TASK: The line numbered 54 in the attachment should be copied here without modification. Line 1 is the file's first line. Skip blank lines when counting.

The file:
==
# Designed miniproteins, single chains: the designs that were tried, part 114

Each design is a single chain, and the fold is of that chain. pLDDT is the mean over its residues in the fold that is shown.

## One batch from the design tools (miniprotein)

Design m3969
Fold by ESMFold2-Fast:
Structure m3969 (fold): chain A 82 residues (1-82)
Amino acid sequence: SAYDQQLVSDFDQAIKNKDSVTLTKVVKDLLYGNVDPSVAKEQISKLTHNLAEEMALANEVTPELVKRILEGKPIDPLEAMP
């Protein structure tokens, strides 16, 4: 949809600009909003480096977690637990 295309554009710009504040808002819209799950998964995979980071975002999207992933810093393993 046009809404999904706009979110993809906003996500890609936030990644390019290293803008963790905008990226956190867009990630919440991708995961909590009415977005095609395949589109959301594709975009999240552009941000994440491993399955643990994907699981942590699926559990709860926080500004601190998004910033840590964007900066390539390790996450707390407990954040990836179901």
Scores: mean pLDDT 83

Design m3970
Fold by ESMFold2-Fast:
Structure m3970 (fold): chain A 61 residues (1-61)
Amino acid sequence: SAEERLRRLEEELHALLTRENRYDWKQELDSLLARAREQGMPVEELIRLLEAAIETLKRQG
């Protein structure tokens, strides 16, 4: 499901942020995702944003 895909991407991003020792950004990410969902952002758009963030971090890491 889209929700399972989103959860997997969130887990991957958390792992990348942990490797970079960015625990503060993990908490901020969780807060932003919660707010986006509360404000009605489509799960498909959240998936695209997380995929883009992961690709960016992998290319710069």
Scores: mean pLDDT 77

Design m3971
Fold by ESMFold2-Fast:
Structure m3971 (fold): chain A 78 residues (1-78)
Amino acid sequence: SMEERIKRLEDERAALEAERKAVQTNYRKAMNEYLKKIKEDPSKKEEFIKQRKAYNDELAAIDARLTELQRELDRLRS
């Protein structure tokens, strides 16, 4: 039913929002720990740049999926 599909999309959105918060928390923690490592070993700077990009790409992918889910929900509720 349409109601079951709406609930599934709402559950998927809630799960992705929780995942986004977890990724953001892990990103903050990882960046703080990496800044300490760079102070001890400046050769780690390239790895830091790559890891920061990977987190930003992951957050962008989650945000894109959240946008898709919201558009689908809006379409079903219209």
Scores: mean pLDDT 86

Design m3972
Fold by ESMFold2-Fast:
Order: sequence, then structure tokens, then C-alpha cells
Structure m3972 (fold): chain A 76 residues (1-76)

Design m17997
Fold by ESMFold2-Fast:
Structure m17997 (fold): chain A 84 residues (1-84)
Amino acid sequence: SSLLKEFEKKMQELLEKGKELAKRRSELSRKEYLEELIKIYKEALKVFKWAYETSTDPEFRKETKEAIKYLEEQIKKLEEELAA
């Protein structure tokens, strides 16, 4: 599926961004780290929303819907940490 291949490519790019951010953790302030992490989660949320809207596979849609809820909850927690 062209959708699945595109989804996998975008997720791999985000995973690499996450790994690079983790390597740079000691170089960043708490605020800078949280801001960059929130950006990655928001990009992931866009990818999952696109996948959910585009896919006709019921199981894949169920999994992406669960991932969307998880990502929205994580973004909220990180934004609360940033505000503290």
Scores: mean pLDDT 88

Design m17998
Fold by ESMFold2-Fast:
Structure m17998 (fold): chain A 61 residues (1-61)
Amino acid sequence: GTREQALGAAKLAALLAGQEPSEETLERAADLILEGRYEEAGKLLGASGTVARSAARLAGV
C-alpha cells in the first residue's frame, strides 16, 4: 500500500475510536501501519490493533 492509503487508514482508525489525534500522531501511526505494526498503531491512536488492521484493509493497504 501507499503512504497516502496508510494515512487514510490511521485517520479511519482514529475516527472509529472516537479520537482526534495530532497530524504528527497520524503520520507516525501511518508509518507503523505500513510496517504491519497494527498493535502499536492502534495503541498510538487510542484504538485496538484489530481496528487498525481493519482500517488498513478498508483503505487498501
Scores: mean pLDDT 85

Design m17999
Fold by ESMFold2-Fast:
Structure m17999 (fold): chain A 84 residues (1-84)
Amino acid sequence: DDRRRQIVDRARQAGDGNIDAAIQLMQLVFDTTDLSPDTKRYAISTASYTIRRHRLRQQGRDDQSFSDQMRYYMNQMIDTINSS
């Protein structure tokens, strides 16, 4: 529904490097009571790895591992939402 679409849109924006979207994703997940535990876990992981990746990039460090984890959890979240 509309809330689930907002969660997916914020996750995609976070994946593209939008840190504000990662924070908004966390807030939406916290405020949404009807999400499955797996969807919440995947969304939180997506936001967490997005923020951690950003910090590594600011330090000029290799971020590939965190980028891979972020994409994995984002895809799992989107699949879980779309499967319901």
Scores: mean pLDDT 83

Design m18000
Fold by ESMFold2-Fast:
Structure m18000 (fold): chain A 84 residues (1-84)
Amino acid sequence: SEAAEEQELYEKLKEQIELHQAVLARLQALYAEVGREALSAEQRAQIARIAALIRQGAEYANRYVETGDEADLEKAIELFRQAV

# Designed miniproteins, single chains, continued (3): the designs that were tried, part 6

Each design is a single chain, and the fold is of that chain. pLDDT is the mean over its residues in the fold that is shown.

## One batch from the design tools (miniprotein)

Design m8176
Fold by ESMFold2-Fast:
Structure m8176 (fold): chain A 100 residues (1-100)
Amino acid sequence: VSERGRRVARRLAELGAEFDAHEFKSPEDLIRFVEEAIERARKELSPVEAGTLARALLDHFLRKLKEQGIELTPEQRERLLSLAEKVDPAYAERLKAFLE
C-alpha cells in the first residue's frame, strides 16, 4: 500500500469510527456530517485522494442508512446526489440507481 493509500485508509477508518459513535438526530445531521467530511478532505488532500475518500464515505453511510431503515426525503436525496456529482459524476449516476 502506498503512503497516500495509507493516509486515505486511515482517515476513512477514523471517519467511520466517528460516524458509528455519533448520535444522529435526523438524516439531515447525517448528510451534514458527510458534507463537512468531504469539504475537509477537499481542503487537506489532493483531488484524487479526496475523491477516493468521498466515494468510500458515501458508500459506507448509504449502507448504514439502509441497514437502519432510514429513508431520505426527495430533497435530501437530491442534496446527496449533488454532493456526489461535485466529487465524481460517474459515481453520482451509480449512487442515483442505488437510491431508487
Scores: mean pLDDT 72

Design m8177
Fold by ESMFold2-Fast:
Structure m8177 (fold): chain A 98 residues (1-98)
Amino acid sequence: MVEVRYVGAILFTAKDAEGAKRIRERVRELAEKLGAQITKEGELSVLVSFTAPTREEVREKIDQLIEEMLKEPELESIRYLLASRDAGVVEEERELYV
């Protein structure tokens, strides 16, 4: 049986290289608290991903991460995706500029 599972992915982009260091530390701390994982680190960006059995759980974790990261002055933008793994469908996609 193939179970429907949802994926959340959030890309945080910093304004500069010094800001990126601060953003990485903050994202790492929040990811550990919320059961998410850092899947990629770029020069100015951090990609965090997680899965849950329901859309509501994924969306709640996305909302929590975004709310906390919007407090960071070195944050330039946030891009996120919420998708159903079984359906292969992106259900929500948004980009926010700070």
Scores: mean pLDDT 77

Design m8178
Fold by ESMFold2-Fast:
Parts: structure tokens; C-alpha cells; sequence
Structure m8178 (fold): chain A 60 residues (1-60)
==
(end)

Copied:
Amino acid sequence: VSERGRRVARRLAELGAEFDAHEFKSPEDLIRFVEEAIERARKELSPVEAGTLARALLDHFLRKLKEQGIELTPEQRERLLSLAEKVDPAYAERLKAFLE